Results of bold decision stack up
A North-West family took a risk in rapidly growing its vegetable business and is now reaping rewards, including an export award. Karolin MacGregor reports
Afocus on producing top-quality vegetables and developing overseas markets has made Premium Fresh one of the state’s top exporters.
The operation recently won the Tasmanian regional exporter of the year award for the second time after first claiming the gong in 2011.
While the business has grown significantly since it was established in 2000, it is still a family operation and is headed up by brothers Jim, Mike and Rick Ertler.
The family was farming on the Forthside property where the operation’s factory is now when they saw a value-adding opportunity.
At the time they were also running a small vegetable-processing business in Devonport, which they sold in 2005.
In the early days the family’s main crop was carrots and they soon moved into onions.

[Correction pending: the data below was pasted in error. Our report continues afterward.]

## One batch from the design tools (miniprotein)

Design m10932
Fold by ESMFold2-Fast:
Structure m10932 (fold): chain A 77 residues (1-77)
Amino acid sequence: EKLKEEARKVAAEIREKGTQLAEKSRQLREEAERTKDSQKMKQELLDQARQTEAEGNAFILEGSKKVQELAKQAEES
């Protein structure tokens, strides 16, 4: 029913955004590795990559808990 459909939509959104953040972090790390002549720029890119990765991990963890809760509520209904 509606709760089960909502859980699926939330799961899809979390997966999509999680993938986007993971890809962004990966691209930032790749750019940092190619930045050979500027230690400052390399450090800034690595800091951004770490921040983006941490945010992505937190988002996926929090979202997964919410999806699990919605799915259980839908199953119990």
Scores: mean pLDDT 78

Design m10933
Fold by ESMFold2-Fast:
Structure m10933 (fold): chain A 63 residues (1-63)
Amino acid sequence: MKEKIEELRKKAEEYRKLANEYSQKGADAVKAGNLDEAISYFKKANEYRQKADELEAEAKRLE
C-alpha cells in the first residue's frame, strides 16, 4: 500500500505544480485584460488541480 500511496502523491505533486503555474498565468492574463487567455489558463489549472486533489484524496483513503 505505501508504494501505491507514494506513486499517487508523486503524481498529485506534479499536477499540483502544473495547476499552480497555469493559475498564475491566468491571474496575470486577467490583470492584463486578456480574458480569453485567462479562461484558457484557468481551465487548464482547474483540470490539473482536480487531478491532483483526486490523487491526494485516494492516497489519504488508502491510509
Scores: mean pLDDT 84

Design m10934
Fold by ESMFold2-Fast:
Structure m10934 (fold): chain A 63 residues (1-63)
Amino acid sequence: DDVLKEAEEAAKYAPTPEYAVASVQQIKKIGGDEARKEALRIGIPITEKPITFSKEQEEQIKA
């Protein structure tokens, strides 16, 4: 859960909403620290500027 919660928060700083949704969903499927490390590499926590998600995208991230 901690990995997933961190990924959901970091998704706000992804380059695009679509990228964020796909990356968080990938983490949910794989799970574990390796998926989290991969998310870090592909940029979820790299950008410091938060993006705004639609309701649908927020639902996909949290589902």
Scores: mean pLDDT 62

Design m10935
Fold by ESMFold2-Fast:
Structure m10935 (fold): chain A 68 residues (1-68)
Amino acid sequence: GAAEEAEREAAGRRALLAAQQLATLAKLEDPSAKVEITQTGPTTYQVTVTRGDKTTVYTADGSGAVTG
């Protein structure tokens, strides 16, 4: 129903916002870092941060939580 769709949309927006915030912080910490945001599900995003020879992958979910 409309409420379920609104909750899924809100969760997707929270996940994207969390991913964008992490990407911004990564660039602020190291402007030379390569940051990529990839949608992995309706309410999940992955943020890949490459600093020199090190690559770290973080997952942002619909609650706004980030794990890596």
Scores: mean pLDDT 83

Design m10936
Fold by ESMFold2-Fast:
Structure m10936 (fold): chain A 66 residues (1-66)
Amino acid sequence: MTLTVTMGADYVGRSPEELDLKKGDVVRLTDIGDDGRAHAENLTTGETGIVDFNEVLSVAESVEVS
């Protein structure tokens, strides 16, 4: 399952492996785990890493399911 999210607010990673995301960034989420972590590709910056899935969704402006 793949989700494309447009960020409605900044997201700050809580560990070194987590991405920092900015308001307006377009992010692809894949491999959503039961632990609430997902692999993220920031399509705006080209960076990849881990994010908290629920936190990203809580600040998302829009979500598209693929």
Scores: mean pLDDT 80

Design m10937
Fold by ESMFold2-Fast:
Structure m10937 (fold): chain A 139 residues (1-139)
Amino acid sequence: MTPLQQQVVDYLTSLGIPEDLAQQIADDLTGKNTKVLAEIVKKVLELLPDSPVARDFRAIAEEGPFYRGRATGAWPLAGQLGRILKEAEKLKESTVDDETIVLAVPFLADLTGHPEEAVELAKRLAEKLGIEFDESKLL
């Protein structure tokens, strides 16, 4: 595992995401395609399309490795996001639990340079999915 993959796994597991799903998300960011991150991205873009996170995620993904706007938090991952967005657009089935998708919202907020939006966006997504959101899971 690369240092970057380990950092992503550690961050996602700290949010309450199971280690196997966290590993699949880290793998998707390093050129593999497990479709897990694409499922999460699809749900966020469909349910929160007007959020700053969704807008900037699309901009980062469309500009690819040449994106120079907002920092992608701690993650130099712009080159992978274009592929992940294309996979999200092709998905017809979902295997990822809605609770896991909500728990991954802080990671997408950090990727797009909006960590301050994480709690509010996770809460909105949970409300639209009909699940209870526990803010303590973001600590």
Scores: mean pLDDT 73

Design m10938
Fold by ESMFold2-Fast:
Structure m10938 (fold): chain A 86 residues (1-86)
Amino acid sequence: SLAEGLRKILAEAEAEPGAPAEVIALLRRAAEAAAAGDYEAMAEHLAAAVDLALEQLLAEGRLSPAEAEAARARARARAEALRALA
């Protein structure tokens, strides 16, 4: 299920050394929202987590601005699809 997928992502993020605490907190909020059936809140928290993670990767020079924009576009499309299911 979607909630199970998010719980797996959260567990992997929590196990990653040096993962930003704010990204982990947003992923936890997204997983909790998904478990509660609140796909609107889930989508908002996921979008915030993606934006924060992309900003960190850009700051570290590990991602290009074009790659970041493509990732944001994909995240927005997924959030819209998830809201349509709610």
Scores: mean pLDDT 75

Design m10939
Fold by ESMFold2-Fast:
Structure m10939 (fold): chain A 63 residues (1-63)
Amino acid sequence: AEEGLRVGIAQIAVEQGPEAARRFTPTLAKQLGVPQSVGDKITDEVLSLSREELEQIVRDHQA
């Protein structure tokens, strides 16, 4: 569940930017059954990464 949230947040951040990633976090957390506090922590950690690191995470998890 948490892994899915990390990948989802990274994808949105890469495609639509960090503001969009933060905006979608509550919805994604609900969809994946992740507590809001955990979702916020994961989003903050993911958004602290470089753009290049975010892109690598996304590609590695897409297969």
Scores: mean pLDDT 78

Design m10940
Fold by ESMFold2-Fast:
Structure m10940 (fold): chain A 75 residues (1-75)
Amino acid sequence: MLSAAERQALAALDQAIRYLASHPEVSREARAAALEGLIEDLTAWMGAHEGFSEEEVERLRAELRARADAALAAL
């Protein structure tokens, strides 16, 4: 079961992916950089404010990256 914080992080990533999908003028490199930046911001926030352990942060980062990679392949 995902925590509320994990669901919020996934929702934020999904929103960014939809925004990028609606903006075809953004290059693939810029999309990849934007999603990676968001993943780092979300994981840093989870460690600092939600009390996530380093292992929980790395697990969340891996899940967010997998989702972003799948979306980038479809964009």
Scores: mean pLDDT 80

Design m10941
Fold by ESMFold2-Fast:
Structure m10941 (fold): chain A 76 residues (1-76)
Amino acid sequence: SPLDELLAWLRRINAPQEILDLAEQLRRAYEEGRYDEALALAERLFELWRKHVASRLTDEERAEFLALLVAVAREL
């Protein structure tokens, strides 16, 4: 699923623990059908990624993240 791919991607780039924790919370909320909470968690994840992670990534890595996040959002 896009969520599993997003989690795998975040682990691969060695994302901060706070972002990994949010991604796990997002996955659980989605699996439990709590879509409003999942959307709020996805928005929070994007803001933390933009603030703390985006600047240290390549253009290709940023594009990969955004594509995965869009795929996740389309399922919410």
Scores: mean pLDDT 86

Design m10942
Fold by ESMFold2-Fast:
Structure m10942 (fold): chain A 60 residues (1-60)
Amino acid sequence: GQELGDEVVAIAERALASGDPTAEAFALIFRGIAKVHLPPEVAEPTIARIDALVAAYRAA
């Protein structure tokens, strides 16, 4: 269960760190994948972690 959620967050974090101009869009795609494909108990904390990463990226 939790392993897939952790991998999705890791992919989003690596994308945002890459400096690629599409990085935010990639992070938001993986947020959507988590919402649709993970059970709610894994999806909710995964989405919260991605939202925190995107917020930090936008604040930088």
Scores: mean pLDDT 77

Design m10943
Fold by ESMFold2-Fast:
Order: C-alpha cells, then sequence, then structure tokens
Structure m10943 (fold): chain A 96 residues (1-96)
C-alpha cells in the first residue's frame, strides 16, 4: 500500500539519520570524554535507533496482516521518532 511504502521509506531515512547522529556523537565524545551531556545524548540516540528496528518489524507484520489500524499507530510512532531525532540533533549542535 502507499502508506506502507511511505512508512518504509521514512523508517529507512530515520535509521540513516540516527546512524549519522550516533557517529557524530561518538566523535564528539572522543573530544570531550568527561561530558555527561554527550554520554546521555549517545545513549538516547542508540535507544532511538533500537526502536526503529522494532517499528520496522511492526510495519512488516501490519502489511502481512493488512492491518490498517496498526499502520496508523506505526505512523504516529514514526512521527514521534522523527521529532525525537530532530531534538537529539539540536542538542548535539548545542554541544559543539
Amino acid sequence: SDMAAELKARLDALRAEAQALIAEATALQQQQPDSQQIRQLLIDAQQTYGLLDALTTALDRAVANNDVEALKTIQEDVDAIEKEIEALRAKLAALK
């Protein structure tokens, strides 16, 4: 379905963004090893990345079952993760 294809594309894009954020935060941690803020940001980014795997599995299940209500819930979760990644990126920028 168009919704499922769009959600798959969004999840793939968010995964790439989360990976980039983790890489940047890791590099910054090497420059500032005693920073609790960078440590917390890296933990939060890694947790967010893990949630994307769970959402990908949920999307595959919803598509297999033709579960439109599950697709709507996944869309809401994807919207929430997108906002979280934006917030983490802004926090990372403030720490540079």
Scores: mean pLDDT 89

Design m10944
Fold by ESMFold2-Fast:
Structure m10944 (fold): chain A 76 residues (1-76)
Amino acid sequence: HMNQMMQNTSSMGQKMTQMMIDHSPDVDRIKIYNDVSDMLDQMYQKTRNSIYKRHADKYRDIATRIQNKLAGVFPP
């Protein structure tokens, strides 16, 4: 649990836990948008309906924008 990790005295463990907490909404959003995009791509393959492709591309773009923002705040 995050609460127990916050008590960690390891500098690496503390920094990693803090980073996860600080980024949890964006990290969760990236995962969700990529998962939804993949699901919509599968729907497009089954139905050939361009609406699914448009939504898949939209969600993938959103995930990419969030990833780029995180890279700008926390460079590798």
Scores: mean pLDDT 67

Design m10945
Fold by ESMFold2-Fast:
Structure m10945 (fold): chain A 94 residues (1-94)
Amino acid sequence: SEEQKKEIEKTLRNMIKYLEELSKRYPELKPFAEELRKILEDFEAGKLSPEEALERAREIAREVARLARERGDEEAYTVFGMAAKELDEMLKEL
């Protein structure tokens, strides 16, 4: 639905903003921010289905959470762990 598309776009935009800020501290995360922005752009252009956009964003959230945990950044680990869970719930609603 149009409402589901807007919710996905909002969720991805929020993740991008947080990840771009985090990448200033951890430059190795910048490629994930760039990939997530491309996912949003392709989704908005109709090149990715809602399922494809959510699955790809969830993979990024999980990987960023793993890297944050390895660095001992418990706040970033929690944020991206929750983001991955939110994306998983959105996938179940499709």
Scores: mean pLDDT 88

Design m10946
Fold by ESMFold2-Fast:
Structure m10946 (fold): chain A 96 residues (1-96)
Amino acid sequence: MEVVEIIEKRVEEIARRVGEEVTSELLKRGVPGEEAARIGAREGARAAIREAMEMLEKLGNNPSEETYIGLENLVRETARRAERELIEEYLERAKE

“We saw a gap in the market, we got good feedback for our products. We were putting them into Sydney, particularly carrots,” Mike said.
“So there was a gap and we filled it pretty quickly and expanded in 2001, so we stuck our necks out pretty well.”
The expansion saw them go from growing about 33ha a of carrots to 142ha in the space of one year. Nowadays the company grows about 200ha a year.
“The opportunity came because of where Tasmania fits in, producing vegetables in that summer period,” Jim said.
“We’re reliable as versus the mainland where they can have 10 days in a row over 40C. Our mainland customers recognised that, so for those vegetables, for summer production, Tasmania is a good place to be.”
Carrots are the main crop, but the company now also grows about 150ha of onions, leeks, shallots and red onions along with broccoli, beetroot, Brussels sprouts, swedes and turnips. More recently they also grow asparagus.
“We’ve been keen on trying to extend out season because we’ve got a lot of infrastructure tied up for a short period of time and management resources as well,” Mike said.
“So we’re trying to push our season and our production income flow out as far as we can.”
The business employs about 60 fulltime staff but the number of employees can go up to 240 in the peak season.
While it is early days the brothers have high hopes for their asparagus crops.
“We think it going to be a bit like the cherries of the vegetable world,” Mike said. “It’s a niche commodity and it’s at the higher end.”
At present there are only a few small asparagus growers in the state.